About the artist

A portrait of featured artist, Javier Molina

This week’s interview is with Javier Molina, where we focus on his dark imaginings. Javier was born in La Paz, Bolivia and has lived in London for the past 47 years. He has been taking photographs since 1969, on and off; sometimes earning his living through photography. It is only in the past seven years that he has allowed himself the title of Photographer.

I try never to have the same style, and never take the same photograph – Javier Molina

Javier’s composite images, particularly those from his ‘Imaginations’ series, are surreal journeys into his psyche. The artworks lean towards the darker side, with self-expressive and philosophical narratives; often using religious and mythological references, and presented in visceral colours and heavy use of textures.

How did you first get into digital art?

I have been taking analogue photographs since 1969, processing my negatives and printing them. The logical step was then to move to digital. Black and white analogue photography is a world of itself, however, and digital photography cannot match it.

Why did you choose digital art as your medium?

Everything now is converted to digital, inevitably one has to use this medium.

Tell us about the process you use to make your art.

There are four aspects to my production: landscapes, digital art, still life and portraiture, and post-processing is vital to all my work. For my landscape work, the camera will give me about 60% of the final result, and the rest is retouching. The subject matter of the digital art I call ‘Imaginations‘ is broad, and I use only my photographs in the composites; at a push, one can call it surreal imagery. For my still life and portraiture, I aim to bridge the gap between traditional photography and traditional art.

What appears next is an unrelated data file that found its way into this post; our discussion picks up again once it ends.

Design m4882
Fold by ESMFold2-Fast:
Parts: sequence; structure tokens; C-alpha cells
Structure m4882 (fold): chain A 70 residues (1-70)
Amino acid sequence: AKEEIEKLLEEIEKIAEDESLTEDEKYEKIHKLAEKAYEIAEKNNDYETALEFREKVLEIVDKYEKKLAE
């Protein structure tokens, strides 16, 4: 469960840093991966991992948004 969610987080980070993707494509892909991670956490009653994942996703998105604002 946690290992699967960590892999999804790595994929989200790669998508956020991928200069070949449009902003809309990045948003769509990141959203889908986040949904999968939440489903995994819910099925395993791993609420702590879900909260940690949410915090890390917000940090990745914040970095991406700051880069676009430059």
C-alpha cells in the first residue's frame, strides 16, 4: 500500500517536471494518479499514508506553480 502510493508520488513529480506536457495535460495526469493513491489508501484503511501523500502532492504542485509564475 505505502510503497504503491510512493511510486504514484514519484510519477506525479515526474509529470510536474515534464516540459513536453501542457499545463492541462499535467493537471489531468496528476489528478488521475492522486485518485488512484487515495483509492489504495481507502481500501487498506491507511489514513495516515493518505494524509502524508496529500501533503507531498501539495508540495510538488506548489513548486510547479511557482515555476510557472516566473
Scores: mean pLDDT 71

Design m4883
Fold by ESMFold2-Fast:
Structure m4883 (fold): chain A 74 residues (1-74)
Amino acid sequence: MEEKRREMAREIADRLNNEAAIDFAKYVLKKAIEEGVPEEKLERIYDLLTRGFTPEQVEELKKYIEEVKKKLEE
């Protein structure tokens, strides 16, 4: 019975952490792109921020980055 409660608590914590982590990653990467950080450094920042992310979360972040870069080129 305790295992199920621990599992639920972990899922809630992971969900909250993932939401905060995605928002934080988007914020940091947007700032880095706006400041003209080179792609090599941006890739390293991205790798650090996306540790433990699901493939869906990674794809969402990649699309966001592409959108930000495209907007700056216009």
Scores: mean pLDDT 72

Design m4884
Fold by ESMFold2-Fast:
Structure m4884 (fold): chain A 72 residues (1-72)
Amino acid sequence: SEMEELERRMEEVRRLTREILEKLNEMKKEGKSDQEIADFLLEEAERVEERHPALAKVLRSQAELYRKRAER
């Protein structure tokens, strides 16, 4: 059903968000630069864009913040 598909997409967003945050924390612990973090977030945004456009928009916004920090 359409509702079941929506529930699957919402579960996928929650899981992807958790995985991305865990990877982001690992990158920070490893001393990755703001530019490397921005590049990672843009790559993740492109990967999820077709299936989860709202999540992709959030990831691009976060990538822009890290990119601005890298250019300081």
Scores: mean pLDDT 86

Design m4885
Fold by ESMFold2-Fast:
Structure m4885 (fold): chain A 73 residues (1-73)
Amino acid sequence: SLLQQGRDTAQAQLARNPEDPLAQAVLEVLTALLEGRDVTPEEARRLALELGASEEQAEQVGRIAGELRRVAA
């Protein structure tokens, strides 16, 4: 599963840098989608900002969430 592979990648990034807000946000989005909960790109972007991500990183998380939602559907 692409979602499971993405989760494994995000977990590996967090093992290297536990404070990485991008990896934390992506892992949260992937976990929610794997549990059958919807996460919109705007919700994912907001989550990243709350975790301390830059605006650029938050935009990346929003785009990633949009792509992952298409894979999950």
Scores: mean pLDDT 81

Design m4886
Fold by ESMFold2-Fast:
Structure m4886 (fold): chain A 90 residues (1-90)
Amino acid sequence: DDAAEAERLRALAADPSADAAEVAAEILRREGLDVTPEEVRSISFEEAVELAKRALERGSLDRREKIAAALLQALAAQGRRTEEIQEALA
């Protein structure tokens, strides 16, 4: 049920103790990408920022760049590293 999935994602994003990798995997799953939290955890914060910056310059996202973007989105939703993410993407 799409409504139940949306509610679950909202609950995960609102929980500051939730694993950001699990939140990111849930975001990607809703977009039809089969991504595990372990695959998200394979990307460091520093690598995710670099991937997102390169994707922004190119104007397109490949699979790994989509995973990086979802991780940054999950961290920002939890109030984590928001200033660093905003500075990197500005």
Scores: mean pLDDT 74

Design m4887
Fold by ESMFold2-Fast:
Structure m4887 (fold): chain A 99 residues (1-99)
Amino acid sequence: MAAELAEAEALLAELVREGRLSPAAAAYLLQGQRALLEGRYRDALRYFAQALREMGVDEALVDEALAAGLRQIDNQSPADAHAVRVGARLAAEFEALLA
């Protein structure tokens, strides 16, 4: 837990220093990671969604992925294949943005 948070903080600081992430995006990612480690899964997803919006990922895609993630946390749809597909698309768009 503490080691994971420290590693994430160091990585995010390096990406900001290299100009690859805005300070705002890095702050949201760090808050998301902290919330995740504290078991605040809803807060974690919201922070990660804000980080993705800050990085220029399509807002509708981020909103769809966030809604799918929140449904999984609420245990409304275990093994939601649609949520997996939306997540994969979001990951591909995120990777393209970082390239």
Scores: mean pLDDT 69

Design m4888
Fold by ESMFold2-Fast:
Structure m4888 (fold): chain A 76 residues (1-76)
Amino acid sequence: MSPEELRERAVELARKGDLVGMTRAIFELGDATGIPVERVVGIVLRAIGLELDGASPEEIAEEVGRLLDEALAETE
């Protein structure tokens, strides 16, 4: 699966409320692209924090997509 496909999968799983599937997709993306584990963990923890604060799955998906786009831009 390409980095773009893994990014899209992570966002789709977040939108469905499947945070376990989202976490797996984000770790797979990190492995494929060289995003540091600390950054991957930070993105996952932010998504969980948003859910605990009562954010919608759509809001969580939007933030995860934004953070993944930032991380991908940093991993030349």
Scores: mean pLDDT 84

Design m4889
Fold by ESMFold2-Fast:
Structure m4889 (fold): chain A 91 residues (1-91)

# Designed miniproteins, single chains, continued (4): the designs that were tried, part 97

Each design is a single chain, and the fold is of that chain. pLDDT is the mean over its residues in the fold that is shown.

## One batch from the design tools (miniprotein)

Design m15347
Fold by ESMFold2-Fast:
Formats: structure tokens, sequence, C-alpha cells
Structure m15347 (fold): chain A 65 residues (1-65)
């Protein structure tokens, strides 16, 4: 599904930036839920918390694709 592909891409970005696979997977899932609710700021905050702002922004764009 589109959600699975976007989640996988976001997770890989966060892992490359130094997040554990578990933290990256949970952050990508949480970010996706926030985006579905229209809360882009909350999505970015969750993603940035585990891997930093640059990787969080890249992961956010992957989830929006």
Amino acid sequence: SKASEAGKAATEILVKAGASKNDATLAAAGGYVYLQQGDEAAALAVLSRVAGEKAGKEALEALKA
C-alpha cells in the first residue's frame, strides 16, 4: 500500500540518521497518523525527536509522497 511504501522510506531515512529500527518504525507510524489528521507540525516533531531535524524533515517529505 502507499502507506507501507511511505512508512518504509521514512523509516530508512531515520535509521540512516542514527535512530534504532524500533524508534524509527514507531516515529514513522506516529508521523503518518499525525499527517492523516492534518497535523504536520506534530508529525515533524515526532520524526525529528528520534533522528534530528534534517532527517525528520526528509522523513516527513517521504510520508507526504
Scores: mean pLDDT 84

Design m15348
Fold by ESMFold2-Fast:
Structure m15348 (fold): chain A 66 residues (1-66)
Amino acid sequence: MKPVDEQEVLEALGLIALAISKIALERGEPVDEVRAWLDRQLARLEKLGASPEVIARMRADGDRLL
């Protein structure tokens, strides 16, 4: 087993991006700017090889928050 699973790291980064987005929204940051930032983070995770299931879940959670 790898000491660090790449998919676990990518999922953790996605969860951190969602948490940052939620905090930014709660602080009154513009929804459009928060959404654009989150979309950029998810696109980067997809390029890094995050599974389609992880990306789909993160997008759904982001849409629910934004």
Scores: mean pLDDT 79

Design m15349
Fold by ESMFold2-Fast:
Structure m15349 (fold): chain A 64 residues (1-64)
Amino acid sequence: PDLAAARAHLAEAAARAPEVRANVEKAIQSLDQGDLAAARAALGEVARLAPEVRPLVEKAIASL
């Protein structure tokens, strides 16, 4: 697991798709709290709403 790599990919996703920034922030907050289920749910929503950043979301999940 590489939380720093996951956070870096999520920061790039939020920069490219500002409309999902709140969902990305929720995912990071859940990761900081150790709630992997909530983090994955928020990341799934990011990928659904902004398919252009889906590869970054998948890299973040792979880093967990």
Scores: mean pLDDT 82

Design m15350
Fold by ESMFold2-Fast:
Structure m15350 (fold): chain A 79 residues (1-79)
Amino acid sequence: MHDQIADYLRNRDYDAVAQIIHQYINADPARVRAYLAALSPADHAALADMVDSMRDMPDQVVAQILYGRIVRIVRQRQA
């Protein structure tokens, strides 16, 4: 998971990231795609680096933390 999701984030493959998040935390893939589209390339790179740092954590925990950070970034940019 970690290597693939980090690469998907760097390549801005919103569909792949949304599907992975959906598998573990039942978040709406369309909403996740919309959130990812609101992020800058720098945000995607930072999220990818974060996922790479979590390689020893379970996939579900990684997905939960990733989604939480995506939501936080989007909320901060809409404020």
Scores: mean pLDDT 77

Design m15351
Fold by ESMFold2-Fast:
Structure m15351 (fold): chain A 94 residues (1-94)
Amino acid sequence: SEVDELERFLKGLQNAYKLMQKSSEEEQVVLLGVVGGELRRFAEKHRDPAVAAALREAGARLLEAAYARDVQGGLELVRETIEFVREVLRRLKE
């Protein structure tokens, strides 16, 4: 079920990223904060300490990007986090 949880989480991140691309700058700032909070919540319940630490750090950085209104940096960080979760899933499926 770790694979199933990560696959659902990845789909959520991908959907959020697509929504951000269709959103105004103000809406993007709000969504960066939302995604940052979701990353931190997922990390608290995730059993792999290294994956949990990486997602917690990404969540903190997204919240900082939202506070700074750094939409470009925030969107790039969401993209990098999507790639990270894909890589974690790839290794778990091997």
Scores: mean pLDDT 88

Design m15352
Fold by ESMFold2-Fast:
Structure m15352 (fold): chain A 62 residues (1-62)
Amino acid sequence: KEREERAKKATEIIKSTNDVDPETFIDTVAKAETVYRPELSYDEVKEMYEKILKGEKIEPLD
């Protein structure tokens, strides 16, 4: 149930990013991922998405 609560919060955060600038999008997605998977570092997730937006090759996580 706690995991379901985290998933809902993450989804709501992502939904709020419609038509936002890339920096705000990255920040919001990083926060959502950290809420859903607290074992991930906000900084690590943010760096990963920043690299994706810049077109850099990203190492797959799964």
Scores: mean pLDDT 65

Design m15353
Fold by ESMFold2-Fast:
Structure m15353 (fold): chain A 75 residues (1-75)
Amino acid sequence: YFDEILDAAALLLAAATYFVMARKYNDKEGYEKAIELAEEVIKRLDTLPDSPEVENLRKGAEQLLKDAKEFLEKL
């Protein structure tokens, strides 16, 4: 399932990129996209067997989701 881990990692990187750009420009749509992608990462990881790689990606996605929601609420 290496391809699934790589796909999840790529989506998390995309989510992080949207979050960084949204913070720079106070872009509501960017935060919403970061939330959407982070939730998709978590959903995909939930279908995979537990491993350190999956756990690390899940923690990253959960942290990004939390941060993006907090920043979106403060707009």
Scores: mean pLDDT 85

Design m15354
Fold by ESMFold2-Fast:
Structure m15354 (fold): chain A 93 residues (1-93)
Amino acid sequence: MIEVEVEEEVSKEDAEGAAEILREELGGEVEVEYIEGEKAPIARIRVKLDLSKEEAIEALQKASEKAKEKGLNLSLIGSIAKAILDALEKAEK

What artistic styles are you particularly drawn to?

The artists I am drawn to are varied: the Pre-Raphaelites, John Martin’s vast landscapes, Ansel Adams, Jan Saudek, David Lynch, Caravaggio, to mention a few.

What inspires you?

Both light and shadows and the act of creation inspire and move me.

What is your artistic motivation?

My motivation is self-expression; my work justifies my existence.

Of all your images to date, which is your favourite and why?

It is always the last one produced that is my favourite because I can see the development of my style and technique. If I were to choose one it would be ‘The Self – Beheaded’.

Which three words or phrases would you use to describe your work?

Imaginative, varied and inspiring.

Name three artists who inspire you.

Gus. Icelandic landscape photographer, Rafn Sigurbjornsson and digital collage artist, Julian Pacaud

How do you think you’ve improved as an artist compared to when you first started?

I improved with practice. Practice makes perfect as they say.

What advice would you give yourself if you could go back to when you started making art?

Do it again!

What devices/equipment do you use to create your art?

I use a Nikon D810 and a Nikon D7000 for my photography.

Which apps/programs do you use to create your art and which are your favourites?

Photoshop and Lightroom.

Do you use images from stock sites as well as your own photos and if so, which are your favourites and why?

I only use my images.

And finally, do you find that people dismiss digital art as a valid art form?

Possibly but that is of no consequence.

Thank you for sharing your thoughts and artwork with us, Javier!

Where to find Javier’s work online


Saatchi Art

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